We have arrived at the first Sunday in Lent and on Wednesday we will begin our Lent study program with reflections on the mystic Dame Julian of Norwich.
This Sunday we begin with the traditional gospel that leads us into Lent. It is traditional and it is familiar. To say that is to poke rather roughly at one of the most calloused, obtuse and frustrating obstacles to Christian faith – the deadening illusion of our familiarity with the scriptures and its consequences: that (a) we don’t read them with expectancy and (b) we are not startled and the light does not break through. The most fundamental exercise in approaching such scriptures is to read repeatedly until the familiarity shreds away and the text starts to feel strange. It is an exercise, a discipline, in defamiliarisation.
The text that is our portal into Lent, Matthew 4.1: reads quite starkly, “Then Jesus was led up by the Spirit into the wilderness to be tempted by the devil.”
The normal device of speech falters as our literal understanding is confronted by another order of reality operating in the world. Jesus is led by the Spirit, by God; this tangible and real human figure is influenced by another dimension; another being and is directed into an encounter with a malevolent evil power. With this thought dimensions of reality collide; the world as we assume it to be, suddenly assumes a different appearance. Questions explode into uncomfortable clarity – what has God to do with the Devil? Is God really in charge here? If we were scripting this text for a film, someone would be screaming a warning, ‘Don’t go Jesus!” We customarily evade such questions by literary subterfuge: reminding ourselves that this is all metaphor, mythology and symbols; and certainly not to be taken literally. Except – what if all speech and not just metaphor and myth is a mirror for a reality beyond our grasp?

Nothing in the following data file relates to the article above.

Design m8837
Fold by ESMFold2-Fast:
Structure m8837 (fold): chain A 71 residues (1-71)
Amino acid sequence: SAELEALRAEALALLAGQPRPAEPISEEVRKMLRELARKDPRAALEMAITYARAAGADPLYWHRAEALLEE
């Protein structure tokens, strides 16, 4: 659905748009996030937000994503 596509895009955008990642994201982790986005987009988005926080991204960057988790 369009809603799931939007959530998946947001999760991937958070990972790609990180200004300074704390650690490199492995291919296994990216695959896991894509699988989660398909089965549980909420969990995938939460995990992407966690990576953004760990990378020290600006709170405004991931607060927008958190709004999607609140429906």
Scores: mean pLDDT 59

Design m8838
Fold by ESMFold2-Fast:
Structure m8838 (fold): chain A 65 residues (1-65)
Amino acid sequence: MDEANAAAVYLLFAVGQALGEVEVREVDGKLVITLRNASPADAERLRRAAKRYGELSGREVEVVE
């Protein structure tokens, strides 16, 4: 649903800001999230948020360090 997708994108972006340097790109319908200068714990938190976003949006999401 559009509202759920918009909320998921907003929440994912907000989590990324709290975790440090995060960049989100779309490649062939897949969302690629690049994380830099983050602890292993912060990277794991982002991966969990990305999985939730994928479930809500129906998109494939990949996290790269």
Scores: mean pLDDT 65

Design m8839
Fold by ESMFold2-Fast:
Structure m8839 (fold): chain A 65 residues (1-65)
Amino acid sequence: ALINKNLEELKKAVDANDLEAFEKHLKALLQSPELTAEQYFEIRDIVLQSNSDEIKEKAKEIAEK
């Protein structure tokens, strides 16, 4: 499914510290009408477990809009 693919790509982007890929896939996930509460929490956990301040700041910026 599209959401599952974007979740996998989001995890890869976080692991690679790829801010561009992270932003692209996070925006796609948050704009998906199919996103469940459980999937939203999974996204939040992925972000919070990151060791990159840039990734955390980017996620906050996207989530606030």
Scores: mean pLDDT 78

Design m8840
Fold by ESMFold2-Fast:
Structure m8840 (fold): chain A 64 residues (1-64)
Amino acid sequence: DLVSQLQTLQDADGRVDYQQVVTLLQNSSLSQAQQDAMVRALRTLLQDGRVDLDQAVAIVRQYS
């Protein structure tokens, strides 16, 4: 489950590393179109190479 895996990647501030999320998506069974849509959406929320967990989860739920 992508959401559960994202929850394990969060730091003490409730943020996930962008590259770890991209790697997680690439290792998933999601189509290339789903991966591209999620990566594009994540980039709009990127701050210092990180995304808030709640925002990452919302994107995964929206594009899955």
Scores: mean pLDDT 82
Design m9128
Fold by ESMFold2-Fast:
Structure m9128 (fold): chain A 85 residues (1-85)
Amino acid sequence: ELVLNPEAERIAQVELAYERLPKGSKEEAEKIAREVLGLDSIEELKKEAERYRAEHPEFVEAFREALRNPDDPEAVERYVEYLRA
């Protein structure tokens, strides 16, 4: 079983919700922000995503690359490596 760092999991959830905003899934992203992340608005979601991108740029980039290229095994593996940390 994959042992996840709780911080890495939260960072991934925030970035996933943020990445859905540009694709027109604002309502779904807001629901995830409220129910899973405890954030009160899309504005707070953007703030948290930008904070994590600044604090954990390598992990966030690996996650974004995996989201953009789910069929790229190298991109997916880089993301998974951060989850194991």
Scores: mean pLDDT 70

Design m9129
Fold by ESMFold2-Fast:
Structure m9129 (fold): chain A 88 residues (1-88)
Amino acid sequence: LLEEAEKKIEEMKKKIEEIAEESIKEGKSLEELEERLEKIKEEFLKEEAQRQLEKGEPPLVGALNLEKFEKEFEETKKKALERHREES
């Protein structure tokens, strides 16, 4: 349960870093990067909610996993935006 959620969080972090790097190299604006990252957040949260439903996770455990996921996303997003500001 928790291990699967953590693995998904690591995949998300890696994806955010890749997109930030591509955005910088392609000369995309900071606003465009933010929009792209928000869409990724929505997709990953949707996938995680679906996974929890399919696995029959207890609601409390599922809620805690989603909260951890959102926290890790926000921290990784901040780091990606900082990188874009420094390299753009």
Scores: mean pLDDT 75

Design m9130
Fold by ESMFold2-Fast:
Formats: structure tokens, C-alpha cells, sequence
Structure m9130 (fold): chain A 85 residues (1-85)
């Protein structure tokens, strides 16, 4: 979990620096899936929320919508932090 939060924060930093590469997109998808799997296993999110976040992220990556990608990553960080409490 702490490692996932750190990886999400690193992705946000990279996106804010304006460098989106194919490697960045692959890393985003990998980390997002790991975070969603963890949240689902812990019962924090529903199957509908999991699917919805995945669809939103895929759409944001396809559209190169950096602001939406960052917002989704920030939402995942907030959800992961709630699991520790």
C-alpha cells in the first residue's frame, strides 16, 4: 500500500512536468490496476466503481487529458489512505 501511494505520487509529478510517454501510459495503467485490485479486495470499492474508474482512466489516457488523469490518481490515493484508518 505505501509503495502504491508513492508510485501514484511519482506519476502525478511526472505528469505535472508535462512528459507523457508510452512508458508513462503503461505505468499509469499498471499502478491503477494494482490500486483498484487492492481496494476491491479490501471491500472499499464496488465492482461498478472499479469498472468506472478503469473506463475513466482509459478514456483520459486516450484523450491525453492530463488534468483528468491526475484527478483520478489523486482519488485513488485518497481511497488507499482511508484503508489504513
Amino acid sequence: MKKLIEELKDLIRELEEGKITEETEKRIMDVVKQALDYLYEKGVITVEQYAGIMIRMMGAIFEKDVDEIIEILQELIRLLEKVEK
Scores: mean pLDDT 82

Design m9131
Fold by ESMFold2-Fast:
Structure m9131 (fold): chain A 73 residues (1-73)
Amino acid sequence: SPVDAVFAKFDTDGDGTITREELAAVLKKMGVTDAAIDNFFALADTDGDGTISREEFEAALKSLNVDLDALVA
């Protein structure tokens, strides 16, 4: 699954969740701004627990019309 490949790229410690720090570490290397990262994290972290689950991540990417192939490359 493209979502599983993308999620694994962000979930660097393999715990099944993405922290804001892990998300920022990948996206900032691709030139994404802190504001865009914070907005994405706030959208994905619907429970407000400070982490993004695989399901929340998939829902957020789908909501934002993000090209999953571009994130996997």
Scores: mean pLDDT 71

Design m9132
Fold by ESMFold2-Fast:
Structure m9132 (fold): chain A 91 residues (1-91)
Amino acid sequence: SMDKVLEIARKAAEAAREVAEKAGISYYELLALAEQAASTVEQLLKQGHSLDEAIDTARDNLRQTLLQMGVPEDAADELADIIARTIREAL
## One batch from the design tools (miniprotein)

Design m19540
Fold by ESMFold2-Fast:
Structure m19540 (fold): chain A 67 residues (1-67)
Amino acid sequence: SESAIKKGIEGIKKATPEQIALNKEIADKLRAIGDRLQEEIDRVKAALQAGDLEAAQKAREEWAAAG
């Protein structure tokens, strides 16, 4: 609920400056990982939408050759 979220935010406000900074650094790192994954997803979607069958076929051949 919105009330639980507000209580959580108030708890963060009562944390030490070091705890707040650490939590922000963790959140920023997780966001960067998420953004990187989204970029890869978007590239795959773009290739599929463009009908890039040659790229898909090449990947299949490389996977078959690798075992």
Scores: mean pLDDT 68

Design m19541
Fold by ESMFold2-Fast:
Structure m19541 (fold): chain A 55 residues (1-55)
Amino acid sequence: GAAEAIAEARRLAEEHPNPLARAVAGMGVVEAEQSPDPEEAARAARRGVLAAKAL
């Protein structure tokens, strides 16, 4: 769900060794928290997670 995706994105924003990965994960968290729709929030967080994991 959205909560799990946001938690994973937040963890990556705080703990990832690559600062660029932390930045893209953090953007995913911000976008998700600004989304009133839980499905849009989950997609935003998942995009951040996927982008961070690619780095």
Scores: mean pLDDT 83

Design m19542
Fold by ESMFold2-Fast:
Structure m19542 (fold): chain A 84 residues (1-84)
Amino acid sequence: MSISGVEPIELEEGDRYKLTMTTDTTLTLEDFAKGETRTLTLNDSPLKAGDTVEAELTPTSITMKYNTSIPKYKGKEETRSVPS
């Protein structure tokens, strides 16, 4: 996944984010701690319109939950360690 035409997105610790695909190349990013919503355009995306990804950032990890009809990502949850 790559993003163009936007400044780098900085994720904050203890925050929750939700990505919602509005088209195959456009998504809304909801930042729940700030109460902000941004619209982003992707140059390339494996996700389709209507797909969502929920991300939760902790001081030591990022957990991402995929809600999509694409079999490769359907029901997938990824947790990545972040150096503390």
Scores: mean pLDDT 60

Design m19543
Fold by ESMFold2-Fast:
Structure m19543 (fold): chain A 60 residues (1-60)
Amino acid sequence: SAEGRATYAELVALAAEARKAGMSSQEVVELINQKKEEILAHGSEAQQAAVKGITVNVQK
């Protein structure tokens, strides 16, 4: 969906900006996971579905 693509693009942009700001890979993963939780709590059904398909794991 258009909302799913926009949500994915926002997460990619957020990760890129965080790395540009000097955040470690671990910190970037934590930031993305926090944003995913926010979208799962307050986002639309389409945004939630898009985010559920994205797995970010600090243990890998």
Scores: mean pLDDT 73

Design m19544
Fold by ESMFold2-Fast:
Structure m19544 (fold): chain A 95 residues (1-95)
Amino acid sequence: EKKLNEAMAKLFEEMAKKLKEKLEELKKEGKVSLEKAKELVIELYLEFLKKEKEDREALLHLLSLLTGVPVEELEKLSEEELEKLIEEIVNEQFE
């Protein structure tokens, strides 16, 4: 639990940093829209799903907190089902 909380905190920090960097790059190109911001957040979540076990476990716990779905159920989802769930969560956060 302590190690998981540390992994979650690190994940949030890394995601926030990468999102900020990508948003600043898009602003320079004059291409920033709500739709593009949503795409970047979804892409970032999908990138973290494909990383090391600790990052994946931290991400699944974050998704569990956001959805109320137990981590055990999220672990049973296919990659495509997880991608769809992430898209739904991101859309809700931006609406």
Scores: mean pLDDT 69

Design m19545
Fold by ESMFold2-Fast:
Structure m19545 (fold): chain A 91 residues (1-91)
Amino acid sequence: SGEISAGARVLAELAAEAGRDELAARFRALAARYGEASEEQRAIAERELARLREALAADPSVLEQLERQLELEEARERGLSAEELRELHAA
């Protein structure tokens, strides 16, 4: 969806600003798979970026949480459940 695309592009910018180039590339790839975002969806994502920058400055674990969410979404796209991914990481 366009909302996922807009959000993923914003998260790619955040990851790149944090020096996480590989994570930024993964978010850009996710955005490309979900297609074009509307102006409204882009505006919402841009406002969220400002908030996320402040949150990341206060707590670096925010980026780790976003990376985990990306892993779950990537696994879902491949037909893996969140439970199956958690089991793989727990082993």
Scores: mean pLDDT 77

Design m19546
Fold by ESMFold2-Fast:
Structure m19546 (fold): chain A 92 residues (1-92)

Of course metaphor, myth and symbolism are present – the back story to this gospel is the story of the wilderness in which Israel wandered for forty years enroute to the Promised Land; it is the story of their being tested by God; it’s the story of their failure. But later (after the exile) in the literature of Israel God is no longer the tester of his people – that job is handed over to Satan as the tester or tempter (Job 1-2; Zech.3:1-2; 1 Chr.21:1.) The assumption is that the devil remains under God’s ultimate control. Theologically that presents some problems.
How does the testing begin? It is preceded by that detail of the forty days and nights of fasting which connects with the story of Israel and of course it all takes place in the wilderness, recalling the places of Israel’s wanderings – but amidst these echoes, resonances and allusions is the fact that Jesus is in a reduced and weakened state when the tempter makes his appearance.
From our own knowledge or experience we have some idea of what happens to the body and the mind when food is denied for a long period – the boundaries of how we perceive our world may begin to change. Are we talking about hallucinations? Maybe. I wouldn’t rule them out – but enough at this point to note that mental or spiritual boundaries may shift and in the process Jesus becomes more vulnerable.
Duccio, di Buoninsegna, d. 1319
While being physically depleted and vulnerable over an extended period changes the boundaries of how we see the world, to also be in the wilderness at the same time accentuates these changes in perception – the loneliness, the space, the harshness of the place – challenges us, reduces us. This is the context for real testing – taken when the subject may be at a low ebb physically, mentally and spiritually – and when the world feels strange. It is in this alienated context that Jesus discovers and reveals who he is, as he faithfully resists the intense psychic assaults of the devil.